What is the ADA?
The Americans with Disabilities Act is a federal law related to civil rights that is designed to prohibit discrimination against people with disabilities, mainly in public accommodations and employment. It applies to the federal government as well, including any state or local government. The Americans with Disabilities Act applies to public education, including higher education.
Read more: What is the future of the ADA?
What is Considered a Disability?
The ADA defines a disability as a physical or mental impairment, and is such an impairment that substantially limits at least one major life activity. Students with disabilities deserve full and equal enjoyment of a free public education. We additionally have an obligation to provide equal access to all public services for students with disabilities, including equal opportunity to a higher education.
Section 504 of the Rehabilitation Act (1973)
Section 504 of the Rehabilitation Act of 1973, and Title II of the Americans with Disabilities Act, together cover students with disabilities in practically all public schools and school districts, public colleges and universities, because they receive federal financial assistance. The Rehabilitation Act covers some private schools and private colleges who receive federal financial aid. Those students with disabilities are covered by the Rehabilitation Act, but Title II of the ADA does not apply to private institutions.
What Does it Apply To?
These civil rights laws apply to postsecondary institutions, vocational schools and community colleges, as well as schools listed above. But most importantly, they ensure equal access to each educational program, including extracurricular programs, to provide students with disabilities the academic adjustments needed for full participation. These are called reasonable accommodations, like sign language interpreters, auxiliary aids, etc.
Reasonable accommodations can include things like the modification of applications and/or testing methods, or allowing students to have personal devices and record classes. A reasonable accommodation is something that is designed to assist students with disabilities have equal opportunity to public education. Providing accommodations can also refer to employees with disabilities, and involve assisting their performance of job duties.
Does it Apply to All Schools?
Any facility that receives federal funding, including private schools that receive federal funds of any kind, are all covered by the ADA. Private elementary and secondary schools are considered a public accommodation, therefore must be ADA compliant. For postsecondary education, colleges and universities are not required to identify disabilities; rather, students with disabilities are responsible for letting staff know. However, staff is responsible for telling the entire class the options for assistance and disability services they offer.
To provide accommodations, faculty members may request proof of disability, but only as it pertains to the auxiliary aid you are providing for the college student. Disability status can be given in writing from a medical professional. To ensure the disabled have access to examinations, they must first be able to get to the testing location without barriers, and may require modifications to assist them (i.e. screen reader, braille etc.).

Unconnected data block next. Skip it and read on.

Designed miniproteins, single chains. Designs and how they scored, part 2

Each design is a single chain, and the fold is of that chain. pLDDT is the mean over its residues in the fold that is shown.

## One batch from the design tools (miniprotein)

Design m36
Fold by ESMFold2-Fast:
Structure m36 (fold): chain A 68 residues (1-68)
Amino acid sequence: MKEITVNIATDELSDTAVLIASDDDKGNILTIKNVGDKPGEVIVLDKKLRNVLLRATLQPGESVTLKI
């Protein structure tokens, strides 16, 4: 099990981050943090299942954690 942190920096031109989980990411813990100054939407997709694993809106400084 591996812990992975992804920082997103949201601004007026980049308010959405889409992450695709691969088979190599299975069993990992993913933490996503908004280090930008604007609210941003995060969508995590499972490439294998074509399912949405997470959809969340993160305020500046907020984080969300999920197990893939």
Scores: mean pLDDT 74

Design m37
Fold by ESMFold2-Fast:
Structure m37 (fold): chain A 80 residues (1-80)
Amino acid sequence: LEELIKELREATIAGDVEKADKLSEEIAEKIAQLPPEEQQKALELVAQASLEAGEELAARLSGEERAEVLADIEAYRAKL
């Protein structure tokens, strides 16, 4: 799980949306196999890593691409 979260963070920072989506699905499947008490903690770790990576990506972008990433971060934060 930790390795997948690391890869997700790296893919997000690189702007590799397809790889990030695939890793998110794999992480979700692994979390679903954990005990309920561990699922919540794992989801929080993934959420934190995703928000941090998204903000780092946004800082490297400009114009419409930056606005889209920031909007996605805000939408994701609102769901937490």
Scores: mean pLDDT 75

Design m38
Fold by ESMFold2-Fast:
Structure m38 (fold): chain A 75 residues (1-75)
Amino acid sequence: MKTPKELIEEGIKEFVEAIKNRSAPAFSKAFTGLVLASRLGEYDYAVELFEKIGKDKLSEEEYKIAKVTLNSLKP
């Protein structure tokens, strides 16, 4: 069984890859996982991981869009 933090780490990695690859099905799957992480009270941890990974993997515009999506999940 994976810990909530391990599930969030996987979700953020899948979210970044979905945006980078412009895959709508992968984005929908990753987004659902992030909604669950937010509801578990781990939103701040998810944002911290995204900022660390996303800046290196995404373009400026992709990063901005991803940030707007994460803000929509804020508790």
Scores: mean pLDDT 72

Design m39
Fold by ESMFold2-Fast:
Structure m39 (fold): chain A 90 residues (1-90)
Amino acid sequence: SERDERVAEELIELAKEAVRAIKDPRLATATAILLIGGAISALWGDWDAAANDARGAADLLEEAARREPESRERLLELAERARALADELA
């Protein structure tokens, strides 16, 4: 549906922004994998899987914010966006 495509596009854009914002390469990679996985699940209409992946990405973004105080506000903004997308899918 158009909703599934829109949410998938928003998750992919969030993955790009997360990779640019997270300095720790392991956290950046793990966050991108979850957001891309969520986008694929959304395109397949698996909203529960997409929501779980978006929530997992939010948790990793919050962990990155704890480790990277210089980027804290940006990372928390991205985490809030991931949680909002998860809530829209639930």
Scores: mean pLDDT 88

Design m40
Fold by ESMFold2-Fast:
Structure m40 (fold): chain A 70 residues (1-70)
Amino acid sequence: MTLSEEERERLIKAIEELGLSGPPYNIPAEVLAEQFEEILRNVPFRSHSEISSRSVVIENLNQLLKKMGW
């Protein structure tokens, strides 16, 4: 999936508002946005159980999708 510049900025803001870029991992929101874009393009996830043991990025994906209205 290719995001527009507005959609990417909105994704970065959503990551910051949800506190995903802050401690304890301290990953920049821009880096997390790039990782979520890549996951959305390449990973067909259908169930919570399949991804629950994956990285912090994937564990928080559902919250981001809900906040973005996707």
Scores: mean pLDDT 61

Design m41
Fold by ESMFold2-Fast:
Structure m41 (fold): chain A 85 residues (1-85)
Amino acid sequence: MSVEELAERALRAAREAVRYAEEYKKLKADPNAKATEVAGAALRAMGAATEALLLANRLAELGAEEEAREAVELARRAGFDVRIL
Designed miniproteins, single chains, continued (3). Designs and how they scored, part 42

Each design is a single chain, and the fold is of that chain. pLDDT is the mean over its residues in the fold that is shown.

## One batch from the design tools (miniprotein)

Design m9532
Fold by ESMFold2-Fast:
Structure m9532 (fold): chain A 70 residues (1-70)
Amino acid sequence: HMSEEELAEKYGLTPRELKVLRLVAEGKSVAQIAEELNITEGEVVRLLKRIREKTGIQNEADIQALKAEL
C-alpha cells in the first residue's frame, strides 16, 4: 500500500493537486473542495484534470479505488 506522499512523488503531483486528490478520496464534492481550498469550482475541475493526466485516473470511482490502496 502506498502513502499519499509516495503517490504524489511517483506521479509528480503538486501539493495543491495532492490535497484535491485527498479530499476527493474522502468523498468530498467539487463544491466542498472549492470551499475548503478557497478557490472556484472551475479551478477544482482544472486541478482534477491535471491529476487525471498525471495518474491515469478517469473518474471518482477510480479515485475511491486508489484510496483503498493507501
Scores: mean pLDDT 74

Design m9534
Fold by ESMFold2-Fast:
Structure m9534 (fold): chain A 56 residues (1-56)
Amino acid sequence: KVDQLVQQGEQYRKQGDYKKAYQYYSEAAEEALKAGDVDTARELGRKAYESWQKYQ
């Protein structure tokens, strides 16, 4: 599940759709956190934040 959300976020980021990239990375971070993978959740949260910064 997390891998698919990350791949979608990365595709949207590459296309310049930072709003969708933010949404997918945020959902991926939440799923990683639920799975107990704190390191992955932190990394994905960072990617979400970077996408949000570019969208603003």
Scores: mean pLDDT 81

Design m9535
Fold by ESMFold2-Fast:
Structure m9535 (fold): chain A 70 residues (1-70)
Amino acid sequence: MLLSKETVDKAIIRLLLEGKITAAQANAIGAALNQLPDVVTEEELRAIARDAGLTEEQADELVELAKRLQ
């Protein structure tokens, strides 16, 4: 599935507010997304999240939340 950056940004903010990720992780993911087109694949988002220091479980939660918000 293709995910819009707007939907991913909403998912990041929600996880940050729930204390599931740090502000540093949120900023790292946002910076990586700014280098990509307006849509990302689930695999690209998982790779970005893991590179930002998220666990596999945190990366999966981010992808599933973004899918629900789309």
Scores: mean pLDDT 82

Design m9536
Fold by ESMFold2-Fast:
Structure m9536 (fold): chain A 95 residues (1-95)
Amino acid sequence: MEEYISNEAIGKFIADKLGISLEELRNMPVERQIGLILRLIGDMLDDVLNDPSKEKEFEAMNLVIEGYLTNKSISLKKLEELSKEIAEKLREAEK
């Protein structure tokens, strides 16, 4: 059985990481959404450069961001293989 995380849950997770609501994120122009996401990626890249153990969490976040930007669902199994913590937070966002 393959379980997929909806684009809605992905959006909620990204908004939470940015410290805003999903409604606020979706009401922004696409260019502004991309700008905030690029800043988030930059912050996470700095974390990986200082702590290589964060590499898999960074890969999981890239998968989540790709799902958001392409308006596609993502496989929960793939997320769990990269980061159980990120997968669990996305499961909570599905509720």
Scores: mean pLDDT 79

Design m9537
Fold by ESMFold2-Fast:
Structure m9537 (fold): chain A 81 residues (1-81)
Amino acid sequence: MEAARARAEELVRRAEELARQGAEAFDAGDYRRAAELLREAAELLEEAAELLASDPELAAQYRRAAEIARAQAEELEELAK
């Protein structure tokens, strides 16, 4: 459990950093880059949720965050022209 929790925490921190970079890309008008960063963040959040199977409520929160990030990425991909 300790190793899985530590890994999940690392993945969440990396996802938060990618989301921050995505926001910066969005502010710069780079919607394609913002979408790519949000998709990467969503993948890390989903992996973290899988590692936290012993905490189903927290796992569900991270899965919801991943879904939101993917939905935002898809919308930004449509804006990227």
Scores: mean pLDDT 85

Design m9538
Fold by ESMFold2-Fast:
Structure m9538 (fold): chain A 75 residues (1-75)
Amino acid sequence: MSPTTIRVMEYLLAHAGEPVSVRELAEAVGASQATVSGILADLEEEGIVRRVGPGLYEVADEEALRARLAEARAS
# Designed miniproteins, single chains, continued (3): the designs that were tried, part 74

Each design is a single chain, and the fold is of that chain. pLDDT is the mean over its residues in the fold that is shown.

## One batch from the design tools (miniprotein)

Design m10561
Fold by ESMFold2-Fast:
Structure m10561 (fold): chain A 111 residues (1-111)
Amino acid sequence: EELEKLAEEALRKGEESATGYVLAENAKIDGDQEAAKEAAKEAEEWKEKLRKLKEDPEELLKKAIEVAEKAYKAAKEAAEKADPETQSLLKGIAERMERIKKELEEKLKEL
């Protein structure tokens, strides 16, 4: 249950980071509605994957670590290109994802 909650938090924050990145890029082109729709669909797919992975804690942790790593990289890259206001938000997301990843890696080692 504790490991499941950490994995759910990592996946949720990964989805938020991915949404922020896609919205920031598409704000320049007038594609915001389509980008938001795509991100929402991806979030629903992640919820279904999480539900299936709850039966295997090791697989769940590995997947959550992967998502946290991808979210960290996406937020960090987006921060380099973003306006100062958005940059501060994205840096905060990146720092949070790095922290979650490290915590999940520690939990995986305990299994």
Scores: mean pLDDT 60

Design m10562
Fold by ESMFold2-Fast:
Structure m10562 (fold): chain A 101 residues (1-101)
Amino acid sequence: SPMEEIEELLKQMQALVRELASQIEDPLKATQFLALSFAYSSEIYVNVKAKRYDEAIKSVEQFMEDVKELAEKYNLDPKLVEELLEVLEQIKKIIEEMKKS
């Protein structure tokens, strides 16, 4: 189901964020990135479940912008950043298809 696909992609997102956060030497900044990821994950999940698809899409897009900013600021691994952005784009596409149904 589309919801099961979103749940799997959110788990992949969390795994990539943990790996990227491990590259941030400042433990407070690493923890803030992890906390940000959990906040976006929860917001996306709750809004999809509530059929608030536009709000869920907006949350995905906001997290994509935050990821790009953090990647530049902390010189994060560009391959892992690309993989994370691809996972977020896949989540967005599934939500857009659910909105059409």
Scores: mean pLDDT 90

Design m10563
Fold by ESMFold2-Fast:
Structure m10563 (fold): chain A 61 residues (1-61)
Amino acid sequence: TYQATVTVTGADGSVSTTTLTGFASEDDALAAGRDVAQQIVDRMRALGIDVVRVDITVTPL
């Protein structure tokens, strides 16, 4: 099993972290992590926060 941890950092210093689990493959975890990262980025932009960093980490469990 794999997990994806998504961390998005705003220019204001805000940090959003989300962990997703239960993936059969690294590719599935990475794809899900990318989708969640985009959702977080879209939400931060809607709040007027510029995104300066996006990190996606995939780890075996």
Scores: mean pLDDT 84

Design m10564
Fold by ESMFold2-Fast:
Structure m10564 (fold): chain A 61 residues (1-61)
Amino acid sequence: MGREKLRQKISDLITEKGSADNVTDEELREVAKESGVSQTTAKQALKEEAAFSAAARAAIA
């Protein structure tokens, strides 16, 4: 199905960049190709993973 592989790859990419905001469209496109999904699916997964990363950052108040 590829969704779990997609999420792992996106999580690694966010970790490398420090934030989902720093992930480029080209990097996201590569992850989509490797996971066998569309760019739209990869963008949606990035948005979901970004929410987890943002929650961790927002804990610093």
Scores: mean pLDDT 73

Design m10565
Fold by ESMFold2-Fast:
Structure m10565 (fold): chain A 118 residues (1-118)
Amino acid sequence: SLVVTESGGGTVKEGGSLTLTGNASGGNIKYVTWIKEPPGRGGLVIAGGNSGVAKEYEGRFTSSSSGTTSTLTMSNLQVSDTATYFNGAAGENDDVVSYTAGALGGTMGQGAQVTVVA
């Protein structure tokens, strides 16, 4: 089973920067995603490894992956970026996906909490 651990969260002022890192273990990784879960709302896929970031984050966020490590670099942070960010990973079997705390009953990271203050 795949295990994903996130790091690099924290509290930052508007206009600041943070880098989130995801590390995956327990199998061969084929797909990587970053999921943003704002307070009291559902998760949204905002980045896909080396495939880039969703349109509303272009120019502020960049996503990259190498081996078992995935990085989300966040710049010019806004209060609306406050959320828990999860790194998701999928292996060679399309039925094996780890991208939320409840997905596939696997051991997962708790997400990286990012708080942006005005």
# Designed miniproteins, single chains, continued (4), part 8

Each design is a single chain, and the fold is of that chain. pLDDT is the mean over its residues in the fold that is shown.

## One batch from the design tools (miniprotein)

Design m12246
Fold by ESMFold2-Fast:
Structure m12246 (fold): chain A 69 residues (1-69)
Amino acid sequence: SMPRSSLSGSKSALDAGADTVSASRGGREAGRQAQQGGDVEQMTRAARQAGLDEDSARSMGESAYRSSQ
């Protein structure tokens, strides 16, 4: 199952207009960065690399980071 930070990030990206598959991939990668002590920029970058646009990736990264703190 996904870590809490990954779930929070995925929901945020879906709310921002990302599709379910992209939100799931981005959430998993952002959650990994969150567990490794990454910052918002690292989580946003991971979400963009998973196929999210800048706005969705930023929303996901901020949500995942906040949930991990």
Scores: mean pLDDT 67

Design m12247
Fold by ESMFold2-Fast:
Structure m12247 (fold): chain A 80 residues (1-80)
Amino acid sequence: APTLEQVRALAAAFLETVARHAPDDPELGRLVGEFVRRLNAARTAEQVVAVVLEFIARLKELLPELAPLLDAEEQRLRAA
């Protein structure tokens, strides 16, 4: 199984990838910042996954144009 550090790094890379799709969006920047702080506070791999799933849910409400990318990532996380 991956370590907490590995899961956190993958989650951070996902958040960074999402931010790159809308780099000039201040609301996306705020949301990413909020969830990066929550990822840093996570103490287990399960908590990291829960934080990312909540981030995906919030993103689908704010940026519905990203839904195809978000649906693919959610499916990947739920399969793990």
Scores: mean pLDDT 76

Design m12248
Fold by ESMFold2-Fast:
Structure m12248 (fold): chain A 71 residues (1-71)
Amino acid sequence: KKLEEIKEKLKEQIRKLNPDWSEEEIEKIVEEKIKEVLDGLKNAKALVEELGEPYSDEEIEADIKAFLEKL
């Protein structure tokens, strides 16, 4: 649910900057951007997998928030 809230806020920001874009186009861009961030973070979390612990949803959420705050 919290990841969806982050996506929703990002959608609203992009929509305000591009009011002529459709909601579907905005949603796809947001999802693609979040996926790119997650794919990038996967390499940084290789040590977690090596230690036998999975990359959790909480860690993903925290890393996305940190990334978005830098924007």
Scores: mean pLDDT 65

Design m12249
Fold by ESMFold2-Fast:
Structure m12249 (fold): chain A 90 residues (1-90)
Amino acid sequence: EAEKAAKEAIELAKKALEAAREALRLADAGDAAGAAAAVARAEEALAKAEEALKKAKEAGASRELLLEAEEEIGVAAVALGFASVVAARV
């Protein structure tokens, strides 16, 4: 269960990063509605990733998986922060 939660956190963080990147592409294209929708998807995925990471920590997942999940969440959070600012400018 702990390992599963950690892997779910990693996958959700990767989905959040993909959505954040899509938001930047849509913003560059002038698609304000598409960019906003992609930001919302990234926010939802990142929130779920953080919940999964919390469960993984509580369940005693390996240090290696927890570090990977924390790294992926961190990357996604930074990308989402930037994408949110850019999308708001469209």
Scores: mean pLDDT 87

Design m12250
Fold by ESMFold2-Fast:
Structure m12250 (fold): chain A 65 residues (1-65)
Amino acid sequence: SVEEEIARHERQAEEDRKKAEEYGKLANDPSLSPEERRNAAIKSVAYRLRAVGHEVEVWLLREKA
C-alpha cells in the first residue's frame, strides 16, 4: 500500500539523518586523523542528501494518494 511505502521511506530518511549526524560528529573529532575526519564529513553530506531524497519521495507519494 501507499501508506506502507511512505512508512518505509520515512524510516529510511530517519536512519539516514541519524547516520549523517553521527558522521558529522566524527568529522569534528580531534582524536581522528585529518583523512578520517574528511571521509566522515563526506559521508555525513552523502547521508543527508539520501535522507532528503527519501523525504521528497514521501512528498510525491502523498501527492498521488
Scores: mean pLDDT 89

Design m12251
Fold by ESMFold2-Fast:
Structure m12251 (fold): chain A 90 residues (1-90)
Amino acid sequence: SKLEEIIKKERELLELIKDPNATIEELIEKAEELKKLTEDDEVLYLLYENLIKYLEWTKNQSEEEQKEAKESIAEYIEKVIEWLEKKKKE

To best serve college students with disabilities, schools should have a disability services office, and assign them an academic advisor. This way if they need any assistance, such as technical assistance, these students will have somewhere they are familiar with to go. If you need assistance with any of these issues, you can visit the government website here.
Physical or Structural Changes
Of course, this also means alterations to the buildings of schools and colleges everywhere, in becoming ADA compliant. Barriers need to be removed for students with disabilities, though by and large this has already been accomplished. If your building(s) were constructed prior to 1977, there are still detailed guidelines for changes to be made. In fact, the 2010 Standards for Accessible Design have been adopted, and are applied to any and all new construction for public accommodations (businesses).
If you run a private school of any kind, or any business for that matter, and you're interested in becoming ADA compliant, you're going to need signs. But having ADA compliant signs, putting them in the right places, having theright type of sign (i.e.: visual, braille, pictogram, tactile etc.), and following the highly detailed requirements can be a challenge! That's why you need ADA Central, the authority on ADA signs.
Here at ADA Central, we have a huge stock inventory and we also do custom signs for your business. We can also help you with any details you're struggling with, as far as sign requirements go - as there are plenty of those. Whenever the government writes a federal law, you can count on it being overly detailed and using obscure language. Good thing ADA Central is here to help you make sense of it all. When you need ADA compliant signs, remember us here at ADA Central. We look forward to serving you!
Inclusion and Accessibility
Being included in the community you live in and having access without discrimination to the same activities as everyone else, is probably something you take for granted. Not so with people with disabilities, and since no one asks for a disability - and anyone can acquire one, at any time, in life - we all need to care about the ADA. We are making great strides in creating a world that's accessible to everyone. Do your part, and make sure your business is in compliance.